Using the same example system we’ve been working with so far, we’ve now calculated an estimate for the number of points in the neighborhood of each point.
Since we already told the computation how far to search for neighbors based on
r_max, all we had to do was pass a
(box, points) to compute indicate where the points were located.
Imagine that instead of a single set of points, we actually had two different types of points and we were interested in finding the density of one set of points in the vicinity of the other. In that case, we could modify the above calculation as follows:
import numpy as np import freud L = 10 num_points = 100 points = np.random.rand(num_points)*L - L/2 query_points = np.random.rand(num_points/10)*L - L/2 r_max = 2 diameter = 0.001 ld = freud.density.LocalDensity(r_max, diameter) ld.compute(system=(box, points), query_points=query_points) # Access the density. ld.density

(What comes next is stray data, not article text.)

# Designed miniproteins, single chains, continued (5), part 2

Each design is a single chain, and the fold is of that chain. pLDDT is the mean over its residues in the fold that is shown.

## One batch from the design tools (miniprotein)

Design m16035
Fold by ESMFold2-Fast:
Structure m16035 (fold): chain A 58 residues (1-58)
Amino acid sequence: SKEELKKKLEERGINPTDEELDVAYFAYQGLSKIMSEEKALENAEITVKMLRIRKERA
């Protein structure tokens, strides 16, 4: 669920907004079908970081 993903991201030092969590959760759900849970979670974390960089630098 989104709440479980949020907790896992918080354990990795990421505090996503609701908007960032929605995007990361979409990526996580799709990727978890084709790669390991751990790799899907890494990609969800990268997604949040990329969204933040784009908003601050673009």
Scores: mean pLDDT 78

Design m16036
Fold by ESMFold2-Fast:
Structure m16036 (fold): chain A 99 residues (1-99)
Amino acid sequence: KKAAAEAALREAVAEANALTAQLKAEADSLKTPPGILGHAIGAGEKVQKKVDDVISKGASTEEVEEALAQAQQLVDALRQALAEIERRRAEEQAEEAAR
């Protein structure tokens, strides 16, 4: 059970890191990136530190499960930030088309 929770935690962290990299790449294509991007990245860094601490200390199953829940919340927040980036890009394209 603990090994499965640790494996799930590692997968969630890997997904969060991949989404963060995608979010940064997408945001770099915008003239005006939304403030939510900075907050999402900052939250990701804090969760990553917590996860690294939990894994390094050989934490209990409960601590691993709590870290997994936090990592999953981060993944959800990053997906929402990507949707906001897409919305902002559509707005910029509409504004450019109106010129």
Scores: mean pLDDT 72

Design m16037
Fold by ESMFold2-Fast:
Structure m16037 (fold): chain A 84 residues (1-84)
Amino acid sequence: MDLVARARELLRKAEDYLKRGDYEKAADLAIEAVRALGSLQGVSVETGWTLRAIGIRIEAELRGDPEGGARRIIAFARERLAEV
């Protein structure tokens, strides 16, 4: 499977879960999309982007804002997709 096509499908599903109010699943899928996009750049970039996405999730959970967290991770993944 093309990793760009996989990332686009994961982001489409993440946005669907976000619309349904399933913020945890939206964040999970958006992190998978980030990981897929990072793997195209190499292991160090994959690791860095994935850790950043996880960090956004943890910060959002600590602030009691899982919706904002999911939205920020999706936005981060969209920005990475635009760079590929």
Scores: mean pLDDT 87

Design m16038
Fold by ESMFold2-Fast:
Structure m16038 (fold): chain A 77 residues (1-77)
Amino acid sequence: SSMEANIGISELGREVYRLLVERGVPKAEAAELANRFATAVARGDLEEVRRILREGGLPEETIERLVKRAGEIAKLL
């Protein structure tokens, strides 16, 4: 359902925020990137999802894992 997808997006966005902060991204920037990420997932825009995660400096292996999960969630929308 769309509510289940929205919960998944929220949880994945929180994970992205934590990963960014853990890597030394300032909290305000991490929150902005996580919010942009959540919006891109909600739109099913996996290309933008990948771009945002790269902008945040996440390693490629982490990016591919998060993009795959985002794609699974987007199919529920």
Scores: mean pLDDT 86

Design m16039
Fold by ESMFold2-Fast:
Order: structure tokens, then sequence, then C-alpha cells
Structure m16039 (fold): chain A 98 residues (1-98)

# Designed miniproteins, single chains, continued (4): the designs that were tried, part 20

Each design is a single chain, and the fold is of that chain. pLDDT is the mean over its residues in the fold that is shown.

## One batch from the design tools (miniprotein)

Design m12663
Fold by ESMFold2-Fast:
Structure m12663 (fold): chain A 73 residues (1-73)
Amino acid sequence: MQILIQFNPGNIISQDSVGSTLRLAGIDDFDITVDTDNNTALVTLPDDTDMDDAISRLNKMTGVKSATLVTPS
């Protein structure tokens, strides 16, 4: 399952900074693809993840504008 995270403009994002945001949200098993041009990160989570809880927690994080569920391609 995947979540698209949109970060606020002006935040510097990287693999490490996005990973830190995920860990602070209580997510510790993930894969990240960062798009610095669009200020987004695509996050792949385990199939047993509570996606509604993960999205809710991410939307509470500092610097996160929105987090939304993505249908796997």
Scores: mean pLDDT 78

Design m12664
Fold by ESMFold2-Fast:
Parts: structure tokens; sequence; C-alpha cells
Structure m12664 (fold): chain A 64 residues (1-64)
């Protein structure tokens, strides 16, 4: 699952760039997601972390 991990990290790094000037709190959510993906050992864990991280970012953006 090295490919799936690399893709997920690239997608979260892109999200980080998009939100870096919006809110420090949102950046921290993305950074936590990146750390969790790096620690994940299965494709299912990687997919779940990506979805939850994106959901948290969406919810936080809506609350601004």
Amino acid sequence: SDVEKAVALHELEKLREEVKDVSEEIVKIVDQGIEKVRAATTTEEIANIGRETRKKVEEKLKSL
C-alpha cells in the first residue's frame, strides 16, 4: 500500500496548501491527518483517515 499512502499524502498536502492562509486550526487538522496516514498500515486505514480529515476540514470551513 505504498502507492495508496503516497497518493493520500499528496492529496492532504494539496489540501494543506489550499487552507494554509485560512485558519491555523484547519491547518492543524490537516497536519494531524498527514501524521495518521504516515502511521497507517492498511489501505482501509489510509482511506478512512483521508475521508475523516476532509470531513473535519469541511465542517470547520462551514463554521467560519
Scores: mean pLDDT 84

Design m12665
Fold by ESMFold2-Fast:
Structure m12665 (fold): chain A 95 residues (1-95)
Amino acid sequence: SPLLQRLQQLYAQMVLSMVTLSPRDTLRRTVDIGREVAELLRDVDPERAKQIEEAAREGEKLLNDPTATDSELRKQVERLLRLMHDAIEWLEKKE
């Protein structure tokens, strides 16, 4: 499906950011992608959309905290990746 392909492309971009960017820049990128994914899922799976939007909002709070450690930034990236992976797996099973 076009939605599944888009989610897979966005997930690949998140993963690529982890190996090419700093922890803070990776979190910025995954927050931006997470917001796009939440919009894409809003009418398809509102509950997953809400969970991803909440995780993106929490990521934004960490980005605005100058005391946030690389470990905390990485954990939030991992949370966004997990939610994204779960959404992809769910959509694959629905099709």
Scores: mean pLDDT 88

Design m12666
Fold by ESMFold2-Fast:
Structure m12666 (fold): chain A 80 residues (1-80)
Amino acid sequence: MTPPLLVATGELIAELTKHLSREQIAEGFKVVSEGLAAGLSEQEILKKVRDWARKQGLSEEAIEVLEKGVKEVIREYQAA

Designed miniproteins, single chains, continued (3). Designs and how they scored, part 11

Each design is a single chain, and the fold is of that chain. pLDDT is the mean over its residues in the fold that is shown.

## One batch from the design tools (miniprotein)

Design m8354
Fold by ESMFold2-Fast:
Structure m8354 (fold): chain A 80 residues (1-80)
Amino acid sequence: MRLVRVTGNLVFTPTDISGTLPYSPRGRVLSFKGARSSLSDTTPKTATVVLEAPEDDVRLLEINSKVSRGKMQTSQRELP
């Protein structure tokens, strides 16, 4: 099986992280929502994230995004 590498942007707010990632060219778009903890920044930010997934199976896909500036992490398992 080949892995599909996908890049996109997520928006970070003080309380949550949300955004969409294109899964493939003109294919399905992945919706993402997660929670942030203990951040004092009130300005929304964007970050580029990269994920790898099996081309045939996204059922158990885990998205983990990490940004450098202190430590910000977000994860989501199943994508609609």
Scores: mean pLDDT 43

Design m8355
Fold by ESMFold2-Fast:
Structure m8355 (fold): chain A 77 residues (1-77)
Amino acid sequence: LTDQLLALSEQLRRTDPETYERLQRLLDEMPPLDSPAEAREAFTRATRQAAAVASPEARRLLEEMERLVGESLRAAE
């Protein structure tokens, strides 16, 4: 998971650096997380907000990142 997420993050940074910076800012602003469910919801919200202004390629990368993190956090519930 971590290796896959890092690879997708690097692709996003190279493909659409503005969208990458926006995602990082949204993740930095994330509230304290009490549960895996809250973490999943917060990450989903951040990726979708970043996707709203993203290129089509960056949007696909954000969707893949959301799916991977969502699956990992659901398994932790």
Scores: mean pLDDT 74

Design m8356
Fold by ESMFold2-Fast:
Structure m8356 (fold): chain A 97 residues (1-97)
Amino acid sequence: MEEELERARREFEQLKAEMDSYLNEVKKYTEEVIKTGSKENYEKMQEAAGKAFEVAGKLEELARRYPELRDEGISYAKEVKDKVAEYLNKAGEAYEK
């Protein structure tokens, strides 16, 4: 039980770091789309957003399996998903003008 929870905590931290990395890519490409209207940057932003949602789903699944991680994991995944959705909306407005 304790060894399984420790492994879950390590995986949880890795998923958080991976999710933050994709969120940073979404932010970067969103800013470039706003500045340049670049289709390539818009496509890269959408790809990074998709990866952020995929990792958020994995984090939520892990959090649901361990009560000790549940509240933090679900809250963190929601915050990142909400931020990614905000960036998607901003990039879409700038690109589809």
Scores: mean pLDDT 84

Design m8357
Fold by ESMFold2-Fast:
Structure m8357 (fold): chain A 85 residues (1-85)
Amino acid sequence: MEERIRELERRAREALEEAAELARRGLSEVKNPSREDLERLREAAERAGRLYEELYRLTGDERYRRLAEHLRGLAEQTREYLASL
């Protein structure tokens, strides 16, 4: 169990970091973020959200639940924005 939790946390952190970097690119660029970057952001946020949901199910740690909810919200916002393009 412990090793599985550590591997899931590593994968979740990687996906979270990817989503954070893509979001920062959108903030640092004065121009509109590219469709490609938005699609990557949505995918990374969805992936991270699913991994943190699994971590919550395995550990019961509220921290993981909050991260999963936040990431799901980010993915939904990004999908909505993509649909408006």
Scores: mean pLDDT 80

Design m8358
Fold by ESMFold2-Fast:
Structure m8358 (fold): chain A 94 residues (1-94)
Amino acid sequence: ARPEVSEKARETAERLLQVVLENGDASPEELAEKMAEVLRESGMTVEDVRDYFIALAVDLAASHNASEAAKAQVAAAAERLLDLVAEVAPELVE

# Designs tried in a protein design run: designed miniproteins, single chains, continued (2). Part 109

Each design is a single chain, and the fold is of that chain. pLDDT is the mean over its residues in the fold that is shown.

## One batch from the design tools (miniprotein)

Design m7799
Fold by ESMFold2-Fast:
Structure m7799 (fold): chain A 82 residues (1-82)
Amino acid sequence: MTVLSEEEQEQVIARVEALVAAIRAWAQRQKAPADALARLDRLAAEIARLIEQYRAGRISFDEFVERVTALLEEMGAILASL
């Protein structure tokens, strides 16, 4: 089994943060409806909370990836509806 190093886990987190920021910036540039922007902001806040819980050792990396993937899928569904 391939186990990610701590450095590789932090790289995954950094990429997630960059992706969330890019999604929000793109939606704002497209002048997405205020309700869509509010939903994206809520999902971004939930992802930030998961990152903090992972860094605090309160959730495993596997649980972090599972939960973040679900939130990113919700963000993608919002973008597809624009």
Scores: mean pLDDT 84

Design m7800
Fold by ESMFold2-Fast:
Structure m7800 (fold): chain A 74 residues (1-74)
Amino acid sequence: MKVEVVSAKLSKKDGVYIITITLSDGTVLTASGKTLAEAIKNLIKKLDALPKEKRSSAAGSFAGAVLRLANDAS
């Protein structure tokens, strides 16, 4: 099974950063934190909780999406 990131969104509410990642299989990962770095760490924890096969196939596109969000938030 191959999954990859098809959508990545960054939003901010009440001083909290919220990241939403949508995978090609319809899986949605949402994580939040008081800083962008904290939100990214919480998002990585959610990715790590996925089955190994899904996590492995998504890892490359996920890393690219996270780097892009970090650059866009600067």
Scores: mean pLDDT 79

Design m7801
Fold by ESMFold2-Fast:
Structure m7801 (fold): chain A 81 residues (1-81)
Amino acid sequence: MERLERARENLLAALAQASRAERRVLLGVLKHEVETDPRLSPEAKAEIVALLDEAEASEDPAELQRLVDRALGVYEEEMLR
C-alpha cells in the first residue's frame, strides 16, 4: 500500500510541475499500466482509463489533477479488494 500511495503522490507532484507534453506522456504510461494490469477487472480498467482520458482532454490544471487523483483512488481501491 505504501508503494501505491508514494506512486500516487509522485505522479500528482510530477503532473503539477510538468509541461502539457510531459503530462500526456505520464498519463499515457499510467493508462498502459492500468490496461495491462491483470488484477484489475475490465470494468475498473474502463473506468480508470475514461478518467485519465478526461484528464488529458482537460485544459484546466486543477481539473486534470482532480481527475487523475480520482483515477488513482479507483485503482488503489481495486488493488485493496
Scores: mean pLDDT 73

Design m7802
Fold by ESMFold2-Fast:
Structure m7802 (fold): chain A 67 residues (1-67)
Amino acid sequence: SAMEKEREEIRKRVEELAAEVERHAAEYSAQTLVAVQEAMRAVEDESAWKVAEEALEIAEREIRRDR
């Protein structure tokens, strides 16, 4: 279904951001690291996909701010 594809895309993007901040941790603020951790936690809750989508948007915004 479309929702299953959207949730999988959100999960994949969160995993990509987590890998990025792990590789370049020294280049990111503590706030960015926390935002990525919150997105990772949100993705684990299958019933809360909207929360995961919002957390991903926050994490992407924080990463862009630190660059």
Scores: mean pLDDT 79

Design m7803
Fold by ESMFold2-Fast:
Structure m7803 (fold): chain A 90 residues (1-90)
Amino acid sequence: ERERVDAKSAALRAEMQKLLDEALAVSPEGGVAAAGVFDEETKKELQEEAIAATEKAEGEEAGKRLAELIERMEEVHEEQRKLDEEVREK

The choice of names names here is suggestive of exactly what this calculation is now doing.
freud.density.LocalDensity will search for all
points that are within the cutoff distance
r_max of every
query_point (essentially using the query interface we introduced previously) and use that to calculate
Note that this means that
ld.density now contains densities for every
query_point, i.e. it is of length 10, not 100.
Moreover, recall that one of the features of the querying API is the specification of whether or not to count particles as their own neighbors.
PairCompute classes will attempt to make an intelligent determination of this for you; if you do not pass in a second set of